Wall Street professionals have been known to exhibit a haughty attitude toward retail traders. But, as it happens, the “dumb money” — a phrase occasionally attached with more than a dollop of derision to mom-and-pop investors — might be smarter than the pros think.
At least, that’s the conclusion — or, rather, one of many conclusions — arrived at by a team of Bank of America Global Research quantitative and equity strategists led by Savita Subramanian in new annual primer on quantitative research, titled “Everything you wanted to know about quant.”
The opus, which is nearly 300 pages long, is packed full of charts and exposition as the team takes an analytical approach to validating (or rejecting) conventional investing wisdom on a range of topics.
‘Smart’ vs. ‘dumb’ money
One of the first investing “myths” addressed in the report is whether retail interest in a stock serves as a reliable “contrary indicator” — that is, if rising retail-investor interest is a sign that a stock might be headed for a rough patch.
Much to the chagrin of the hedge-fund industry, the B. of A. strategists found that this isn’t exactly true. Instead, they found that retail inflows, on average, have been better indicators of performance than hedge-fund flows — if only slightly.
“In fact, returns following periods of retail inflows have been above average and returns post-retail selling have been below average. And retail flows have been slightly better positive indicators than hedge-fund flows,” the analysts wrote.
The team’s data-driven analysis found that stocks with strong retail inflows tended to outperform their benchmarks over the following four weeks by 1.1 percentage point, compared with 1 percentage point of outperformance for stocks with inflows from hedge funds.
And when markets are falling, stocks with high retail ownership have tended to outperform stocks with low retail ownership.
Value vs. growth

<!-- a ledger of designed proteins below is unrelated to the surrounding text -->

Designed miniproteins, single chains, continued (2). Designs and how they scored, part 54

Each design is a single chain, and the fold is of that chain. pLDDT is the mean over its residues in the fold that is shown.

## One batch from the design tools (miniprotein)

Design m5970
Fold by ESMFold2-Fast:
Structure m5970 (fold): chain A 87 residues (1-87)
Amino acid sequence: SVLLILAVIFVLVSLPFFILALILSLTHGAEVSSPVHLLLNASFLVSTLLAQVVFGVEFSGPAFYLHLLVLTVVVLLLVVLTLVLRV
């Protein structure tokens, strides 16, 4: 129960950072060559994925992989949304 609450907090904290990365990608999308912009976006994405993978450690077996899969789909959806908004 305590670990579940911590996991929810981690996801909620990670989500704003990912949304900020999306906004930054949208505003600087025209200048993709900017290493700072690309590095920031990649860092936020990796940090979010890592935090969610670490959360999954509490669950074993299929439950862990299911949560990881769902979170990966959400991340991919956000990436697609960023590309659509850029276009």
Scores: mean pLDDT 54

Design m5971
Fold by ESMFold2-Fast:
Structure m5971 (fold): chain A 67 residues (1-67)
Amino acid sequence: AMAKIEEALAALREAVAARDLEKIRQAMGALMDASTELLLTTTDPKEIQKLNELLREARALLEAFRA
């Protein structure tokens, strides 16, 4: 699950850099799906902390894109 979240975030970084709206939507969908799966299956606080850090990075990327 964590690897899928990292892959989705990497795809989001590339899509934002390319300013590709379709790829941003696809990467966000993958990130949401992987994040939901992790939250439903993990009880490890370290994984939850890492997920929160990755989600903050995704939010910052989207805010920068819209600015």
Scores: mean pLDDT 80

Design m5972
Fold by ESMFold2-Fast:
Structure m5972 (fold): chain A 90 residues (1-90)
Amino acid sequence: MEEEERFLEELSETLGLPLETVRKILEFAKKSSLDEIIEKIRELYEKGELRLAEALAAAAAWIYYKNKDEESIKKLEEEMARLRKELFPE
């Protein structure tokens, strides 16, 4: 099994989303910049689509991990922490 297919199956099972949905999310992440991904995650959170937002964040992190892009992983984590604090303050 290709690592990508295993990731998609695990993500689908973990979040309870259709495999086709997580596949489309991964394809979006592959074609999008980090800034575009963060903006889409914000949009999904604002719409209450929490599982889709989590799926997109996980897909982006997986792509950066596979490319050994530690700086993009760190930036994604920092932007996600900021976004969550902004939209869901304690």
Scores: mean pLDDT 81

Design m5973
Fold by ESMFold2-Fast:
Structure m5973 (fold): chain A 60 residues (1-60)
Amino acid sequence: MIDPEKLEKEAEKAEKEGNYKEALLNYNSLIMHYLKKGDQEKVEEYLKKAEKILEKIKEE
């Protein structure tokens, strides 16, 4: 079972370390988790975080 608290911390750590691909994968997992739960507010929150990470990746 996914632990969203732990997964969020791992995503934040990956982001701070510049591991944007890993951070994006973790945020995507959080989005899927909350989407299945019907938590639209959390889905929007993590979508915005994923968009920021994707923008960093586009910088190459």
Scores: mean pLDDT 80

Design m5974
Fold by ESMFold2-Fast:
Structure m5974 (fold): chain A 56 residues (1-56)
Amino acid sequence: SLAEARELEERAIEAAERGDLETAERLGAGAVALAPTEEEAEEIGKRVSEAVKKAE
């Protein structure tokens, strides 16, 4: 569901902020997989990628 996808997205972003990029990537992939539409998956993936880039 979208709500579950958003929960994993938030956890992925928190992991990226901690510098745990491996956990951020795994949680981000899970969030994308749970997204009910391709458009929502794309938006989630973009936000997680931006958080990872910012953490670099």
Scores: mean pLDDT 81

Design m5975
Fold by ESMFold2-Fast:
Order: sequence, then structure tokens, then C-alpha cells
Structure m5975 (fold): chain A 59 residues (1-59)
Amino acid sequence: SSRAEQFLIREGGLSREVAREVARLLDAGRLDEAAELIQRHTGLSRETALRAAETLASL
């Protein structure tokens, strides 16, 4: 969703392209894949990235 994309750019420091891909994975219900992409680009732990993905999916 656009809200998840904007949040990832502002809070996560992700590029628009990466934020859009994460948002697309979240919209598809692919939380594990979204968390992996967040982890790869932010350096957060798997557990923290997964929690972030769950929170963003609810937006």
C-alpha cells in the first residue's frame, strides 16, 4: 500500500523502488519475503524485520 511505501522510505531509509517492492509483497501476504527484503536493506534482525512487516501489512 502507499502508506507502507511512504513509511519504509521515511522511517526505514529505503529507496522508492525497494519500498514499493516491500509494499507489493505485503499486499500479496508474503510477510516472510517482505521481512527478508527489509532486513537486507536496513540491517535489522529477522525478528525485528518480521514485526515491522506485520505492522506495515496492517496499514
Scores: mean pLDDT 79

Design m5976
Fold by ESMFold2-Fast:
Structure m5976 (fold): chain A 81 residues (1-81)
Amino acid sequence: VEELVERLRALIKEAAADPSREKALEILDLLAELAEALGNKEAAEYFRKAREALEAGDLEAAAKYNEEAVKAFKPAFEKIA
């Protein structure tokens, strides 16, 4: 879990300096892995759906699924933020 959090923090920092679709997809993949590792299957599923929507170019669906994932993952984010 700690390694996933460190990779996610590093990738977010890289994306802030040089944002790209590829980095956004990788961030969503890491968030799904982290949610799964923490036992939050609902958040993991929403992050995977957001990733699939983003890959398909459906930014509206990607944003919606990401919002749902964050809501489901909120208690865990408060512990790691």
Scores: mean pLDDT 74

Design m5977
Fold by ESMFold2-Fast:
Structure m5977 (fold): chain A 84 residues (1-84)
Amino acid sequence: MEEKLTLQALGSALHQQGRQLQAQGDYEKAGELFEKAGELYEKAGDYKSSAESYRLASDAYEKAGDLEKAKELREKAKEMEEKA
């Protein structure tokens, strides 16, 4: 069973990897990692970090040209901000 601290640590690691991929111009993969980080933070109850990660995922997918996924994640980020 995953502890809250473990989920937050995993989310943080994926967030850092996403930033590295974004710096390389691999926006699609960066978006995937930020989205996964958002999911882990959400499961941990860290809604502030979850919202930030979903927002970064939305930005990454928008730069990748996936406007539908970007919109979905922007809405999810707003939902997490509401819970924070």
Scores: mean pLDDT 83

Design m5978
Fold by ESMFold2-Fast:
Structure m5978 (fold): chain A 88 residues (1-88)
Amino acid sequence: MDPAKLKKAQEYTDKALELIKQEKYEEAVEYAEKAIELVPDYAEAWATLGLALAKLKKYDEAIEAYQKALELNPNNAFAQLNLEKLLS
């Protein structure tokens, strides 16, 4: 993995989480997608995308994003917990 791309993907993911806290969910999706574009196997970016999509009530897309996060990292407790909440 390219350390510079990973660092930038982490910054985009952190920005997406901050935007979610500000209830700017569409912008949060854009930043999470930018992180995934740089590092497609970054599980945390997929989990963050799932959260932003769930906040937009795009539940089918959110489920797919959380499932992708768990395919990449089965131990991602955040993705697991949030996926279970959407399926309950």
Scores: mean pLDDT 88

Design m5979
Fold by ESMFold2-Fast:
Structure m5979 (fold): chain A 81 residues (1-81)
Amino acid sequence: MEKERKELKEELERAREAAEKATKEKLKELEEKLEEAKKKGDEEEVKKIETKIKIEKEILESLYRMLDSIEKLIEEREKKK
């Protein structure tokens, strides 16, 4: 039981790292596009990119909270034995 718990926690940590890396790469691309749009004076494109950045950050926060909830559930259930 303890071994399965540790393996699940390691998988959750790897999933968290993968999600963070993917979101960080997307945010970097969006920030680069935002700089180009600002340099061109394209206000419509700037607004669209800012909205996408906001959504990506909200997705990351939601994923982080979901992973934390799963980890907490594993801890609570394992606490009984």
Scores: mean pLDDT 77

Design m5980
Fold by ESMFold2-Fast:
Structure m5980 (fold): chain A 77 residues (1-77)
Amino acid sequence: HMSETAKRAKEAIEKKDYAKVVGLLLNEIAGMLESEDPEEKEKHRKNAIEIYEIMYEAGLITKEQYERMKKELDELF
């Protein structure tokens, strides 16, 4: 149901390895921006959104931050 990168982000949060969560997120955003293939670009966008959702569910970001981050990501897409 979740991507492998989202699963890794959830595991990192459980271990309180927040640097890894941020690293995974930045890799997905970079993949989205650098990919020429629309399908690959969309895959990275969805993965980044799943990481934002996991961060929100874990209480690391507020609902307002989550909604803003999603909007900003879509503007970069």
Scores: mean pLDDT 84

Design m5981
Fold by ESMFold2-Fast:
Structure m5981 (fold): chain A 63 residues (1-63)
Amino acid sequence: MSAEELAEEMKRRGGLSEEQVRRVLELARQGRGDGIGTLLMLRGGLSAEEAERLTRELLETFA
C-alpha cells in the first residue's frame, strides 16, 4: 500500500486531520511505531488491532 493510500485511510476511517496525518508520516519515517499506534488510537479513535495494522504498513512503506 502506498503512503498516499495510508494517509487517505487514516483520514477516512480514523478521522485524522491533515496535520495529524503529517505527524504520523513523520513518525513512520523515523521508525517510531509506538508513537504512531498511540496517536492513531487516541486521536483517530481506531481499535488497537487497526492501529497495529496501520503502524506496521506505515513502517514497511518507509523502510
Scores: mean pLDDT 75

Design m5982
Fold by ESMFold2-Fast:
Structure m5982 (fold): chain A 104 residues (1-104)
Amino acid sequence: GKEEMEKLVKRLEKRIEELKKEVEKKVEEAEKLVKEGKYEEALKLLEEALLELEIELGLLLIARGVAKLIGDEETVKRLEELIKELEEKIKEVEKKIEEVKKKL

Another theme explored in the B. of A. report is the historical performance of value and growth stocks compared with their benchmarks (which for U.S. equities is the S&P 500 index SPX).
For example, over the long term, Russell 1000 Value index
has outperformed the Russell 1000 Growth index . But during “late cycle” periods, the trend reverses, and growth outperforms. The B. of A. team found that while value stocks have outperformed since 1978, growth stocks tended to outperform from 2007 to mid-2020.
On an annual basis, growth has beaten value in six of the last seven years.
Value stocks also tended to put in their best performance during the first 12 months of a tightening cycle. The Federal Reserve started the process of raising interest rates in March, and most economists expect the central bank to continue raising rates for the rest of the year, and into 2023.
Will corporate buybacks rescue stocks?
In recent weeks, equity analysts at JPMorgan have advised clients that hundreds of billions of dollars of corporate buybacks should help but a floor under stocks during the second half of the year.
But the team at Bank of America advised clients that, historically, corporate buybacks haven’t had much of an impact on equity performance.
“Some expect this earnings season’s market volatility to be quelled by the resumption of buybacks after company’s blackout periods end. But the relationship between S&P 500 buybacks and index performance since 1986 is a minimal 0.07 R-squared,” the team wrote.
To be sure, historical data do not guarantee future performance. But as the team points out in its note, Wall Street increasingly has been gravitating toward the type of “quantitative” analysis on display in the note, while becoming less dependent on “fundamental” analysis that relies on more of a big-picture approach to investing.
As the team points out, the number of jobs on Wall Street being advertised for data scientists and other quant-type roles outnumbers those for fundamental analysts by a factor of eight. The number of “factor” screens incorporated in Wall Street firms’ models also has been increasing at a rapid rate, rising from an average of fewer than 10 in 1990 to more than 20 as of last year.